Bellator had its deepest show of the year last month in San Jose. A live crowd of 11,000 fans saw a battle of champions, a legends fight, a welterweight Grand Prix tournament fight and match No. 5 in the career of Aaron Pico.
It was also Bellator’s first show in its history not to air on television or pay-per-view. DAZN is free for its first month, so there was no cost barrier keeping people from watching. And unlike with television, where there are ratings, streaming services are private at this point with their numbers, so there is no way of knowing just how many people watched as compared to if the show was on television.
In theory, whether an event is on free television or a free streaming service shouldn’t make much difference. Netflix and YouTube viewing is more than mainstream. The UFC’s fan base, which is generally younger than most sports aside from soccer, is likely more tech savvy since its news coverage, unlike most sports, has been more internet-based than based in traditional media from the start.
Yet, the only true stat to measure this tells a very different and perhaps scary story about the current consumer moves to this futuristic direction.
The February UFC on FOX 28 show was preempted in the San Francisco Bay Area on KTVU, Ch. 2, due to local programming. A typical UFC on FOX show would draw about 30,000 viewers in that market.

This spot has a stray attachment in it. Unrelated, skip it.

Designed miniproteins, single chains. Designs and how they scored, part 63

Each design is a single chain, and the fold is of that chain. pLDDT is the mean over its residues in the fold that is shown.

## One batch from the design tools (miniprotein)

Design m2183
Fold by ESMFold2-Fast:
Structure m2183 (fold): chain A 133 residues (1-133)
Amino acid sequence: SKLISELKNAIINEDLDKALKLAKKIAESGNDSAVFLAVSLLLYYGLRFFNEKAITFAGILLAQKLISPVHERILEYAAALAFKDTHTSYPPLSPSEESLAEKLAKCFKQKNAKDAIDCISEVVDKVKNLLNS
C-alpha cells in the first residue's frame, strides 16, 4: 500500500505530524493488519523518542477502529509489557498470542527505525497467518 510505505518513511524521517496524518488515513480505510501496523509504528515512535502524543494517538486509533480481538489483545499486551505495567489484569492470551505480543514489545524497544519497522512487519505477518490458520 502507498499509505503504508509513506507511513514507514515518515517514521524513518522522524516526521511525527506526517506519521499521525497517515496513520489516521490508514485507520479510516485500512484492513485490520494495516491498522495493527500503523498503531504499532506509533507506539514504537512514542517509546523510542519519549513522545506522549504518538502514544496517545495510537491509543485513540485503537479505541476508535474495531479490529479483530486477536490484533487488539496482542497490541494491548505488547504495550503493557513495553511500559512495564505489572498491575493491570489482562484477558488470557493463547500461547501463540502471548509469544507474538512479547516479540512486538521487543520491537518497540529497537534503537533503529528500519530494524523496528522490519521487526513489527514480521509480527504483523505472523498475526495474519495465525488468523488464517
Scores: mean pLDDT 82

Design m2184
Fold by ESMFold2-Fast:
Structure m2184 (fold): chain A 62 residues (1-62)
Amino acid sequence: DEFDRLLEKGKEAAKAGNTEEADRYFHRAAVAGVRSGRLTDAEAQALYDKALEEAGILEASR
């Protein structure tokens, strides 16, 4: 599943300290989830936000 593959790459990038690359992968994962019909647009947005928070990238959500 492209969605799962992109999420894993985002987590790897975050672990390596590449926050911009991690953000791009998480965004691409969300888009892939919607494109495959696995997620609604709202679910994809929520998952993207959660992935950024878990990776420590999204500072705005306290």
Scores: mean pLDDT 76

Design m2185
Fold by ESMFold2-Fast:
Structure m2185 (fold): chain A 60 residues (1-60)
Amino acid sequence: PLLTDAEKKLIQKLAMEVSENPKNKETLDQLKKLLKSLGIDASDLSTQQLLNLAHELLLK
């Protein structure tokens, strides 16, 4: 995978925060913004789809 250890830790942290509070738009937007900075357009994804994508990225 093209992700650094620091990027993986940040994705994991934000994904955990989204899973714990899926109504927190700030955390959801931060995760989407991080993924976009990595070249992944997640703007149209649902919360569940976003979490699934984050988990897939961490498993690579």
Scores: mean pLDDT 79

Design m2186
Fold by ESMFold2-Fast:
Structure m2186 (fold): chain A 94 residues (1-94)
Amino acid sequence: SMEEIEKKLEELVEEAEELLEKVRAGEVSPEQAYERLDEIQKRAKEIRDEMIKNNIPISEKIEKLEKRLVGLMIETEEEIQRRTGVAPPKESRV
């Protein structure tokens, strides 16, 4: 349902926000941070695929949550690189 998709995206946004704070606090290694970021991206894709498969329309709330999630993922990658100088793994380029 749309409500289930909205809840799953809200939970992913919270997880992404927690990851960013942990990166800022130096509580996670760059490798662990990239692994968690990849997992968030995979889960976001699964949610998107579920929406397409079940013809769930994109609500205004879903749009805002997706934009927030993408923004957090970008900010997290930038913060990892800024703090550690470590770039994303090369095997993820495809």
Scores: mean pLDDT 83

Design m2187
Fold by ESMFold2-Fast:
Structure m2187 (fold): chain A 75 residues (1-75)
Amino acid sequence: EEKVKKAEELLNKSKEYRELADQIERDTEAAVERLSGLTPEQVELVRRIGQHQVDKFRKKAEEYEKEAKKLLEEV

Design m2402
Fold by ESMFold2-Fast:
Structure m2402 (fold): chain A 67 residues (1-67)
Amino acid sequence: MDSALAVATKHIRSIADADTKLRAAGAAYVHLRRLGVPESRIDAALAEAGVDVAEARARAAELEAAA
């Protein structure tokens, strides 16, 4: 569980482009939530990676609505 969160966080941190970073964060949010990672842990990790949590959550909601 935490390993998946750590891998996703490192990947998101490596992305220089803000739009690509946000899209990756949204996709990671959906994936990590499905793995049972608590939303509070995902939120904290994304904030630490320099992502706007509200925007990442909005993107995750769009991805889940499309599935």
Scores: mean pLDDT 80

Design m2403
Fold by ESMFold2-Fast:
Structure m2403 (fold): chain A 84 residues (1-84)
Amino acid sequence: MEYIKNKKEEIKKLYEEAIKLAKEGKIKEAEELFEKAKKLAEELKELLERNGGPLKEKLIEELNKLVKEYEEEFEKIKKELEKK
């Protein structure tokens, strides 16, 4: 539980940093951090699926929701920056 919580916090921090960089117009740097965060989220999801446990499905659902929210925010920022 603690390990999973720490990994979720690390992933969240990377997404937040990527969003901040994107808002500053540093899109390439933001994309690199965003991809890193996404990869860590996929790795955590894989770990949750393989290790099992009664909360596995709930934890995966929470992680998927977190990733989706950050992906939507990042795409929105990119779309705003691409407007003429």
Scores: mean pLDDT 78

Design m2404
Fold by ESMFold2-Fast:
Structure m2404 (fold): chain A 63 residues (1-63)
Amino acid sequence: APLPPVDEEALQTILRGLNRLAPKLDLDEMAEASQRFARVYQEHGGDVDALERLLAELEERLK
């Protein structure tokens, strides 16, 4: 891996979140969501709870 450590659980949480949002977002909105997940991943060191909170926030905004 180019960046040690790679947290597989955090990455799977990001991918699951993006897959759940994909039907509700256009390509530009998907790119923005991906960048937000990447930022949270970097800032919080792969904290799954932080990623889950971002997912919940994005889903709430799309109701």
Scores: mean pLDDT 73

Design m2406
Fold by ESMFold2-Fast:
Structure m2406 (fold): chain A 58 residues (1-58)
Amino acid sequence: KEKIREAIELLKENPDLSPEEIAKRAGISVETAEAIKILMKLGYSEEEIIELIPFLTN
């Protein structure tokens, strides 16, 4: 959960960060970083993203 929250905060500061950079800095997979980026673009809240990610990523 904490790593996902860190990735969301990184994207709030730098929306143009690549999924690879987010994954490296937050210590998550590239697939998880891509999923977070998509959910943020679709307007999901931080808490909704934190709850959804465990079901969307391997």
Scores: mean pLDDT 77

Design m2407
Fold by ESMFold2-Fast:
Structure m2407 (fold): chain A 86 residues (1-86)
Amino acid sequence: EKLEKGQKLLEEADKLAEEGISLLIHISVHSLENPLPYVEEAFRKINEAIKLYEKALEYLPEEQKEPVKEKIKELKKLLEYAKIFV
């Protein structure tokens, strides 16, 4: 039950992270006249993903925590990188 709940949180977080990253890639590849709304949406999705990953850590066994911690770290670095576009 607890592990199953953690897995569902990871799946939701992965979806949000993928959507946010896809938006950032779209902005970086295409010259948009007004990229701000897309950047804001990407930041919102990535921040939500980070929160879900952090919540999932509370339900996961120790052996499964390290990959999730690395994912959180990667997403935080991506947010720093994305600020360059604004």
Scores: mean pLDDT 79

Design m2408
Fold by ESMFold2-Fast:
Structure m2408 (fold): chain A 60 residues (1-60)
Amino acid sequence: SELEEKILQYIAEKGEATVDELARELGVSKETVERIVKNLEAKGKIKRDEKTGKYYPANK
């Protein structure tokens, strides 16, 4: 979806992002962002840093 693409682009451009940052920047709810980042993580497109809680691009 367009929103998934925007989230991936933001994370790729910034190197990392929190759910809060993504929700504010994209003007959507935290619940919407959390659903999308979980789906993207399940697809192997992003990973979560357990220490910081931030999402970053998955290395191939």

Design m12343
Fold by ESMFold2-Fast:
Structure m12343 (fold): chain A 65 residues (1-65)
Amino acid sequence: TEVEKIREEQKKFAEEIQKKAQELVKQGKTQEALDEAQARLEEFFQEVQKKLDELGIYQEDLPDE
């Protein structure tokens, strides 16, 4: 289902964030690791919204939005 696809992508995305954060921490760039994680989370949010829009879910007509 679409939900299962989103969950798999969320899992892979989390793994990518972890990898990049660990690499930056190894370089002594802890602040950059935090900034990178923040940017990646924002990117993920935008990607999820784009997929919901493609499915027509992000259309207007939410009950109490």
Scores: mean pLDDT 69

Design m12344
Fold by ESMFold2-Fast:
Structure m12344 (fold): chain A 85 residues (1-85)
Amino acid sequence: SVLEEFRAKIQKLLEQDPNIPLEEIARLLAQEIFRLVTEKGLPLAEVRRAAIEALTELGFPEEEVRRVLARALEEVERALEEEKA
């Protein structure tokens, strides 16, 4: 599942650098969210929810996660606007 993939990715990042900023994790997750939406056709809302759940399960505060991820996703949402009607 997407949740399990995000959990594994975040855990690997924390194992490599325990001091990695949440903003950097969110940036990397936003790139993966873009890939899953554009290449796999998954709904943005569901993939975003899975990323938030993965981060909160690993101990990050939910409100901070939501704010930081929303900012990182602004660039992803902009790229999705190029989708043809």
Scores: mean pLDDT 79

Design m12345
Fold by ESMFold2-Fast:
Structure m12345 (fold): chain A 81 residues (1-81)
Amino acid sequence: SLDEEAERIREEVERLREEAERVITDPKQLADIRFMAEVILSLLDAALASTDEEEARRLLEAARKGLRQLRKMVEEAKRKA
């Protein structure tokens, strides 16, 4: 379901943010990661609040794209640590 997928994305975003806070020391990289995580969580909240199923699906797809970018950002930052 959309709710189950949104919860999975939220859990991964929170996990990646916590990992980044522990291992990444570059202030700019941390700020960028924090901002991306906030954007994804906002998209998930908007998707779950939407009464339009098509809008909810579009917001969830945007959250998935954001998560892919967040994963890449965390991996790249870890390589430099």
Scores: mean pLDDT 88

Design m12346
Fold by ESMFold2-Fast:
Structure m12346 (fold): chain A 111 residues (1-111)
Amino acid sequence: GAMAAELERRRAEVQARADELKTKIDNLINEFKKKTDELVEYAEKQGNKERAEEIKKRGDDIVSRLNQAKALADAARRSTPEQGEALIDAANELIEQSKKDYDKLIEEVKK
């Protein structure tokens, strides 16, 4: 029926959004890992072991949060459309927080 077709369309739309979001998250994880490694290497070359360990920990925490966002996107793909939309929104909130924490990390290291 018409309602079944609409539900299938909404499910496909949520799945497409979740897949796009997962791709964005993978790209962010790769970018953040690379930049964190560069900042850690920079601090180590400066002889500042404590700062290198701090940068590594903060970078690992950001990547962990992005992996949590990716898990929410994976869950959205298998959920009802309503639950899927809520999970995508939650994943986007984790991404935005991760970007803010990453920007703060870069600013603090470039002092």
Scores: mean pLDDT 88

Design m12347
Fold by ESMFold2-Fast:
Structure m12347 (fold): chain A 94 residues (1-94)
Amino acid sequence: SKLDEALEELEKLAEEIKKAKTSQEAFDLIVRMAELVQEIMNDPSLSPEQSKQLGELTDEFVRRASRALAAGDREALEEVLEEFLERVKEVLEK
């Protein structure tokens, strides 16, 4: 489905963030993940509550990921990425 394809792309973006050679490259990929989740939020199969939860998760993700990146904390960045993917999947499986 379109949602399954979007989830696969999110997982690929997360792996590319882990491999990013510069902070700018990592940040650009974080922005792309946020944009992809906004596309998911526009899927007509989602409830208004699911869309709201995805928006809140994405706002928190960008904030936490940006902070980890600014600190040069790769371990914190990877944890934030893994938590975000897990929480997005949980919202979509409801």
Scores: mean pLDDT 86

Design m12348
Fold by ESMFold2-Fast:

With those viewers only having streaming options to watch the card, the total streaming numbers on FOX Sports GO and FOX Now were 11,067. The prior UFC on FOX show’s streaming number was 10,694. The one before that was 15,521. In other words, rather than watching via streaming just seven months ago, of the 30,000 regular viewers, all but a few hundred didn’t bother to watch when the show wasn’t on television. And that was for free, and not a service that requires a monthly cost that will further limit viewership.
At Bellator 206, when it comes to the future of the company, one could argue the biggest fight on that card likely was Pico’s win over Leandro Higo. Pico passed a big test with his first-round stoppage over a recent title contender. That was also a textbook example of the type of fight a promotion would want as many people as possible to see, with the idea that if fans get in on the ground floor with a new star like Pico, they’ll be more apt to follow them on their journey to the top.
But with many of Bellator’s biggest shows moving to streaming, and with a monthly cost now associated to it, yes, the hardcore MMA fans will see those type of fights, but that audience was going to be there anyway. The whole goal is to create stars to expand a company’s audience.
For example, Ilima-Lei Macfarlane showed some television drawing power in her last fight, which did the second-best numbers on Paramount of any Bellator show since the end of February. But her Dec. 15 Bellator women’s flyweight title defense against Valerie Letourneau — an event in which the viewer at home is likely to see Macfarlane get a star-type reaction in her home state of Hawaii — will be aired exclusively on DAZN. This will be after DAZN turns into a paying service. Exactly how much that will cut down on the show’s viewership is uncertain, but the number is likely significant. If the UFC on FOX example is a predictor, it’s actually scary.